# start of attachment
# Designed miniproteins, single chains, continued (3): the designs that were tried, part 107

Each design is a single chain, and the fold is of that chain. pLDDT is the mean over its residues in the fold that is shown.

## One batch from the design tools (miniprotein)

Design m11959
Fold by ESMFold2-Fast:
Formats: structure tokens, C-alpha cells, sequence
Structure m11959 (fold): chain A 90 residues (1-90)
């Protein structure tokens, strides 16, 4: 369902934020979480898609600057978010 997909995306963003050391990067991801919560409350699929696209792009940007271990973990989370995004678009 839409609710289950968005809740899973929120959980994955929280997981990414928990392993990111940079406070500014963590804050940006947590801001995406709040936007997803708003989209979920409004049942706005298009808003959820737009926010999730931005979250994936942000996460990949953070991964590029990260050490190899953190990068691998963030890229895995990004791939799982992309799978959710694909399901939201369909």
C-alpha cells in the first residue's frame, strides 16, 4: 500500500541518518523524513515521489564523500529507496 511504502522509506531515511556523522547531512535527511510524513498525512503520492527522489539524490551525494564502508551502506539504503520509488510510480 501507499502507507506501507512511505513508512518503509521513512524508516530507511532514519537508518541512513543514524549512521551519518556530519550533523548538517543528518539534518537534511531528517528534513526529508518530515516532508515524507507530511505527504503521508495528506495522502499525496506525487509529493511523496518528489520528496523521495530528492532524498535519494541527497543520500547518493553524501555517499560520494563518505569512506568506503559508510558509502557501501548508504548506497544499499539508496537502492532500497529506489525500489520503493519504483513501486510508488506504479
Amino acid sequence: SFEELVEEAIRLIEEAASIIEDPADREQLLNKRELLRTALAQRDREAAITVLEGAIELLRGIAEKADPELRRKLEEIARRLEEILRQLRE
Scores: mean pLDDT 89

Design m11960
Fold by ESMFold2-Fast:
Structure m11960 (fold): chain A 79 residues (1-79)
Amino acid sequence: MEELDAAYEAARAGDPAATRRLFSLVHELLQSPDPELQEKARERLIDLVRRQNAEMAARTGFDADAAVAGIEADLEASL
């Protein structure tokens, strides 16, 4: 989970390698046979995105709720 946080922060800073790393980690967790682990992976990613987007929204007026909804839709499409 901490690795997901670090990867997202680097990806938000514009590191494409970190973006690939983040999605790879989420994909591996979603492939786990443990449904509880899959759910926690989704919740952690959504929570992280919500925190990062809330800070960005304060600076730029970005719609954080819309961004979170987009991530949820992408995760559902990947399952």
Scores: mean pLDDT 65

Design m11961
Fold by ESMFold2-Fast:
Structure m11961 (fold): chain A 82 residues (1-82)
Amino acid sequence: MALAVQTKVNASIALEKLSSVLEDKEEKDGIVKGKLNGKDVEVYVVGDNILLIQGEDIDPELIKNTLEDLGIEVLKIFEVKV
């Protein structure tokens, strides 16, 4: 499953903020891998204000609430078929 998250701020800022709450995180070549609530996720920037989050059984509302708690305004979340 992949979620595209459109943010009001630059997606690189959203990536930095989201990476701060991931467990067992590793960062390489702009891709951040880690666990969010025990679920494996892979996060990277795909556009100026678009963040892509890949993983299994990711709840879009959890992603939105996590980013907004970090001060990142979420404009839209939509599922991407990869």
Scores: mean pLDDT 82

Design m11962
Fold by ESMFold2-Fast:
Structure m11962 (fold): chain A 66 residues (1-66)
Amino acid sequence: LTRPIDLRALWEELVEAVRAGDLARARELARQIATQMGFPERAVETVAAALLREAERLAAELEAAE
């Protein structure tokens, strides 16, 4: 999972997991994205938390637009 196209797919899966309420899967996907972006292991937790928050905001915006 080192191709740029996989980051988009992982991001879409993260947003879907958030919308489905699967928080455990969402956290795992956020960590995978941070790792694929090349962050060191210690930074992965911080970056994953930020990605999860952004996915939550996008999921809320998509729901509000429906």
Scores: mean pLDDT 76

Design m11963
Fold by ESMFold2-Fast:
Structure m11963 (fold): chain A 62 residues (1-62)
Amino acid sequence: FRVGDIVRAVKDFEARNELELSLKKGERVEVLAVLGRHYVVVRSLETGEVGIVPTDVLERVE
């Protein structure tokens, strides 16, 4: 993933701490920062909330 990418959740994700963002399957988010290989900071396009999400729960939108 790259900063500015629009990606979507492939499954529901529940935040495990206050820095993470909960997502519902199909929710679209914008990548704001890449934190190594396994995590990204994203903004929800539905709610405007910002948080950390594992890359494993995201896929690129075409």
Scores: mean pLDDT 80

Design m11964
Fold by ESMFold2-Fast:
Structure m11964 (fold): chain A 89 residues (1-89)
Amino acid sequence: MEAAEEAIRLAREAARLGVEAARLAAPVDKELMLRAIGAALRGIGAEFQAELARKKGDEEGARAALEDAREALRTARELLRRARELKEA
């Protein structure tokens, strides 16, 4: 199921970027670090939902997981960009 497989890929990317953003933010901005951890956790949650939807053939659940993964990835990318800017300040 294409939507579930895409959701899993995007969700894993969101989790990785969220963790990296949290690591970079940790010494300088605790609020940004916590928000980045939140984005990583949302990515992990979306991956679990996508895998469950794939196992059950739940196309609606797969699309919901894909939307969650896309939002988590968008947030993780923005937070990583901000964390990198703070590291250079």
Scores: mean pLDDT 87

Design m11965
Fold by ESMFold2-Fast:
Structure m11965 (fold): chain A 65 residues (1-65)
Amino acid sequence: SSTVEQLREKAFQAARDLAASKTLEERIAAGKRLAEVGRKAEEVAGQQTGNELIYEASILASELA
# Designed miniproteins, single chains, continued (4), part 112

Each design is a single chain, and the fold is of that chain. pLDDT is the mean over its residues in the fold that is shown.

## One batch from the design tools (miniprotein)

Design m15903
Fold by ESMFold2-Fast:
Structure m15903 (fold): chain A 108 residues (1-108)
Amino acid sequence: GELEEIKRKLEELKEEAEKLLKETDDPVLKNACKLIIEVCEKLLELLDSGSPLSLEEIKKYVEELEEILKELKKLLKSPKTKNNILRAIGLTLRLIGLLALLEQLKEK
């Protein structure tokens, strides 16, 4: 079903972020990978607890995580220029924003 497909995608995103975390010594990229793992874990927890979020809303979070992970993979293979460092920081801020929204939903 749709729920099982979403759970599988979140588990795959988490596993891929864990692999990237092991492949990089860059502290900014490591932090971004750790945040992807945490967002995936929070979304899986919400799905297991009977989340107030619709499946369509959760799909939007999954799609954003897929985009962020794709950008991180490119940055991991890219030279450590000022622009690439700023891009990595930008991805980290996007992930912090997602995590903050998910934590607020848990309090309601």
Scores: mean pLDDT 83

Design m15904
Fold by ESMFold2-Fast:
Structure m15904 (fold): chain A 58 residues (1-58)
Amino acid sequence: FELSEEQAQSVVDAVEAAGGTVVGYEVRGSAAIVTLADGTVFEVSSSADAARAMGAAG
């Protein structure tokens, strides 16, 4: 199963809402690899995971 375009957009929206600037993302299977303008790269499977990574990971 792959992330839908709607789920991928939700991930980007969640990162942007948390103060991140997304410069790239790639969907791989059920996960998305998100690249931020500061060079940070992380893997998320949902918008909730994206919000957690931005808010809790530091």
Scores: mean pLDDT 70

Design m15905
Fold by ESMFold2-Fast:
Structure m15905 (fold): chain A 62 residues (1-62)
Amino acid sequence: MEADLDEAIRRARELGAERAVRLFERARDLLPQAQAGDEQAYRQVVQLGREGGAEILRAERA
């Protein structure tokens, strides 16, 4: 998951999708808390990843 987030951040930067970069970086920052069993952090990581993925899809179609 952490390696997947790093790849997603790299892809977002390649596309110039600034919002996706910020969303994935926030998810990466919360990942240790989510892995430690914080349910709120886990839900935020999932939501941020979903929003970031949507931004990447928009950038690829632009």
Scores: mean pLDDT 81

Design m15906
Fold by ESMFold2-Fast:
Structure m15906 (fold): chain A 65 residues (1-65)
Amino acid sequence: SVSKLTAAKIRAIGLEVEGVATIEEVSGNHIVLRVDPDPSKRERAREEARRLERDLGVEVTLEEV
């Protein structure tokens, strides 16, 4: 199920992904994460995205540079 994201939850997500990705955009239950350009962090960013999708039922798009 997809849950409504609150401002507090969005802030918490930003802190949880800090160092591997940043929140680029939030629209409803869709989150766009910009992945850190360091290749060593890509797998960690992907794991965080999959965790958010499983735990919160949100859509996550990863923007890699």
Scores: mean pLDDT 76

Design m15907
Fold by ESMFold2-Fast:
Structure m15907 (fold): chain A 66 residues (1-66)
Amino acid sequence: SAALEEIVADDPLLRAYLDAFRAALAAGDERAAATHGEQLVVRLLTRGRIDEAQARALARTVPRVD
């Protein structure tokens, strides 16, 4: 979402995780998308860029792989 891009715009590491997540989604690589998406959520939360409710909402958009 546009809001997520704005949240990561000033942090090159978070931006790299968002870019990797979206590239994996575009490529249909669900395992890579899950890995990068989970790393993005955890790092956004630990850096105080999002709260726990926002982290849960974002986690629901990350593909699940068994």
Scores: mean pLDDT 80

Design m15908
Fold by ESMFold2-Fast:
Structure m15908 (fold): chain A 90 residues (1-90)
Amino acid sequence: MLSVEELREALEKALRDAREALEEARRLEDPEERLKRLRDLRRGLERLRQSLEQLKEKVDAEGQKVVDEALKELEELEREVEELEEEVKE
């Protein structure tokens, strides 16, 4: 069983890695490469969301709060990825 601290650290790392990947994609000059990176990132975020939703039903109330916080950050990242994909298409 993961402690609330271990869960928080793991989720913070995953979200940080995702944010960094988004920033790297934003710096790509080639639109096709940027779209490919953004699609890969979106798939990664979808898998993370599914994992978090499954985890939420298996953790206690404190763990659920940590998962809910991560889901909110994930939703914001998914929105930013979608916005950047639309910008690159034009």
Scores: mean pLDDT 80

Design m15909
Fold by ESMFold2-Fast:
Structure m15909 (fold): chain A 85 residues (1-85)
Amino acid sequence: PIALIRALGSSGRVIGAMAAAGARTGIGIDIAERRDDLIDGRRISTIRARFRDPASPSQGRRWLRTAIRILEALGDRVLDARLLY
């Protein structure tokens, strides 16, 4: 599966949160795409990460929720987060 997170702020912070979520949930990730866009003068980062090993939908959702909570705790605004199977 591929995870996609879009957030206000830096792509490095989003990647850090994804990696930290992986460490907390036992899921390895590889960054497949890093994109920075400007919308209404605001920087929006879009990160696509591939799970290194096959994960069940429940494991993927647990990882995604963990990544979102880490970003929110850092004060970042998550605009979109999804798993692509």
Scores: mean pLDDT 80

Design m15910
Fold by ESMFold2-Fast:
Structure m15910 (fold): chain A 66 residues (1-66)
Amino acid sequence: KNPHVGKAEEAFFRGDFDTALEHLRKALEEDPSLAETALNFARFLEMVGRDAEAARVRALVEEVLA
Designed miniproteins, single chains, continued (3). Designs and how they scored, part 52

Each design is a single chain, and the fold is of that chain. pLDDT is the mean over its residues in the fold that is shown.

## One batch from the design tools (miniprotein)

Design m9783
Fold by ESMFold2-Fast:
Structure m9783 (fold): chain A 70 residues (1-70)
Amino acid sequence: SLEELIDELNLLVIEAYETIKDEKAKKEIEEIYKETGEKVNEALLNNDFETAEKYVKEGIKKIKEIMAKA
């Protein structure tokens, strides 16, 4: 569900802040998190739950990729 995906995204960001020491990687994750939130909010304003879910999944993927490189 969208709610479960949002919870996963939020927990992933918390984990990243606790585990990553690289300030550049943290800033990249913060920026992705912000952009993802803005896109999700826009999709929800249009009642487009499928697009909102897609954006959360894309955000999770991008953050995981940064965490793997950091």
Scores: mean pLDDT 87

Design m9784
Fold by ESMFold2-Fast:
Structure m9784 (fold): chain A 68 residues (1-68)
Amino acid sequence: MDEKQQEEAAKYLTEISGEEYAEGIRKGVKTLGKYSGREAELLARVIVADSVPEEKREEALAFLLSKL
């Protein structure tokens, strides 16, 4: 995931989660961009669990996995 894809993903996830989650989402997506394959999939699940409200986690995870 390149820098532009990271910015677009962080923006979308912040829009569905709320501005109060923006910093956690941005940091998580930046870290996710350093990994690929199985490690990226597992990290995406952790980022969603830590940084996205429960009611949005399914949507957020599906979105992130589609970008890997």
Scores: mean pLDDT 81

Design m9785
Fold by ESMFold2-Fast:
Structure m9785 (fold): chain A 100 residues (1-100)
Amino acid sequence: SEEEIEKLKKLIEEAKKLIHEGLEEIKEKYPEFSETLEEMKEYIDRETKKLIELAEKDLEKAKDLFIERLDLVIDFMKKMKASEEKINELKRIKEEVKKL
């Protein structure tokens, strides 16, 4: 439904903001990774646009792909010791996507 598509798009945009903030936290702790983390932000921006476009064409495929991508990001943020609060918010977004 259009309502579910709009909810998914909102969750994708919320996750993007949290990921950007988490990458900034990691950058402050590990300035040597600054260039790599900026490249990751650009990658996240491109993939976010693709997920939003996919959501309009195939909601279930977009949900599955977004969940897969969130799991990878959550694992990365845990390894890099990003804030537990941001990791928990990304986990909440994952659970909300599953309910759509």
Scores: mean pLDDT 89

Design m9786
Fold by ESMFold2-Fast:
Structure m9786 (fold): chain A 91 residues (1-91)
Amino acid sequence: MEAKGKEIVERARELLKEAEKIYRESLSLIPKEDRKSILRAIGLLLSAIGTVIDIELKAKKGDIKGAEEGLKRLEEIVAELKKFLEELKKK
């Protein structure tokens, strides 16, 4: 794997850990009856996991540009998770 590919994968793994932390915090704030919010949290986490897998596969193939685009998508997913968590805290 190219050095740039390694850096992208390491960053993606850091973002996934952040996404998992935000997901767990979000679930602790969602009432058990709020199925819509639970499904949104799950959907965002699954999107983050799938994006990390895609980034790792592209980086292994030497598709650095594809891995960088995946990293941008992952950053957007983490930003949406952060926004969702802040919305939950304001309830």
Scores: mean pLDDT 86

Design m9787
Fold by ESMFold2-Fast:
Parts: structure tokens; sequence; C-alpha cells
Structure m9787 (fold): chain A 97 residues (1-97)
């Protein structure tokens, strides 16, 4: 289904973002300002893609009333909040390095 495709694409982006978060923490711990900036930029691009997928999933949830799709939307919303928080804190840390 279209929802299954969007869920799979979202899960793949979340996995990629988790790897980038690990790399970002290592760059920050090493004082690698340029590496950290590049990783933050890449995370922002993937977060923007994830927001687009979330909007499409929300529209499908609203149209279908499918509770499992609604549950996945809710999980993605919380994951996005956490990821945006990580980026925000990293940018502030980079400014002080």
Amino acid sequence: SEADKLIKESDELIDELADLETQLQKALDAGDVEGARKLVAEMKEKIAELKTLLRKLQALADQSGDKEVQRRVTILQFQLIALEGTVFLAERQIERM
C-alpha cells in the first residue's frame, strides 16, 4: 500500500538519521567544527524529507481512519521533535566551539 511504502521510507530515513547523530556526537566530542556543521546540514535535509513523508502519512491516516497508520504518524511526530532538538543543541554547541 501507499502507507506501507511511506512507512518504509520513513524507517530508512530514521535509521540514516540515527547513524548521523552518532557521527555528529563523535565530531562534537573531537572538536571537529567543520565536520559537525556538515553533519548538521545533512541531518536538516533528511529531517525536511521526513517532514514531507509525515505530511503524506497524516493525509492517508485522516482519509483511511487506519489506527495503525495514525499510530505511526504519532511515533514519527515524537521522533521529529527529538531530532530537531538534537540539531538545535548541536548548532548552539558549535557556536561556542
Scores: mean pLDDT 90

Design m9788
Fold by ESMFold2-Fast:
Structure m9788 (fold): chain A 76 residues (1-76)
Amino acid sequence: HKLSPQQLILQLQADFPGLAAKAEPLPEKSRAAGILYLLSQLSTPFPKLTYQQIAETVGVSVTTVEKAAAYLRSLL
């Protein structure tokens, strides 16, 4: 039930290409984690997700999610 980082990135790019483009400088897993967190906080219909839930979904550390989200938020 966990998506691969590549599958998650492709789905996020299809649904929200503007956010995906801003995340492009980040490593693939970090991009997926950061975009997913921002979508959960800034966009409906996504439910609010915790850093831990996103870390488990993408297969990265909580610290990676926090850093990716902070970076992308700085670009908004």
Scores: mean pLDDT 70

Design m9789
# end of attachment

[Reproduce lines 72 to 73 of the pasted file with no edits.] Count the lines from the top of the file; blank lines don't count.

Scores: mean pLDDT 76

Design m15907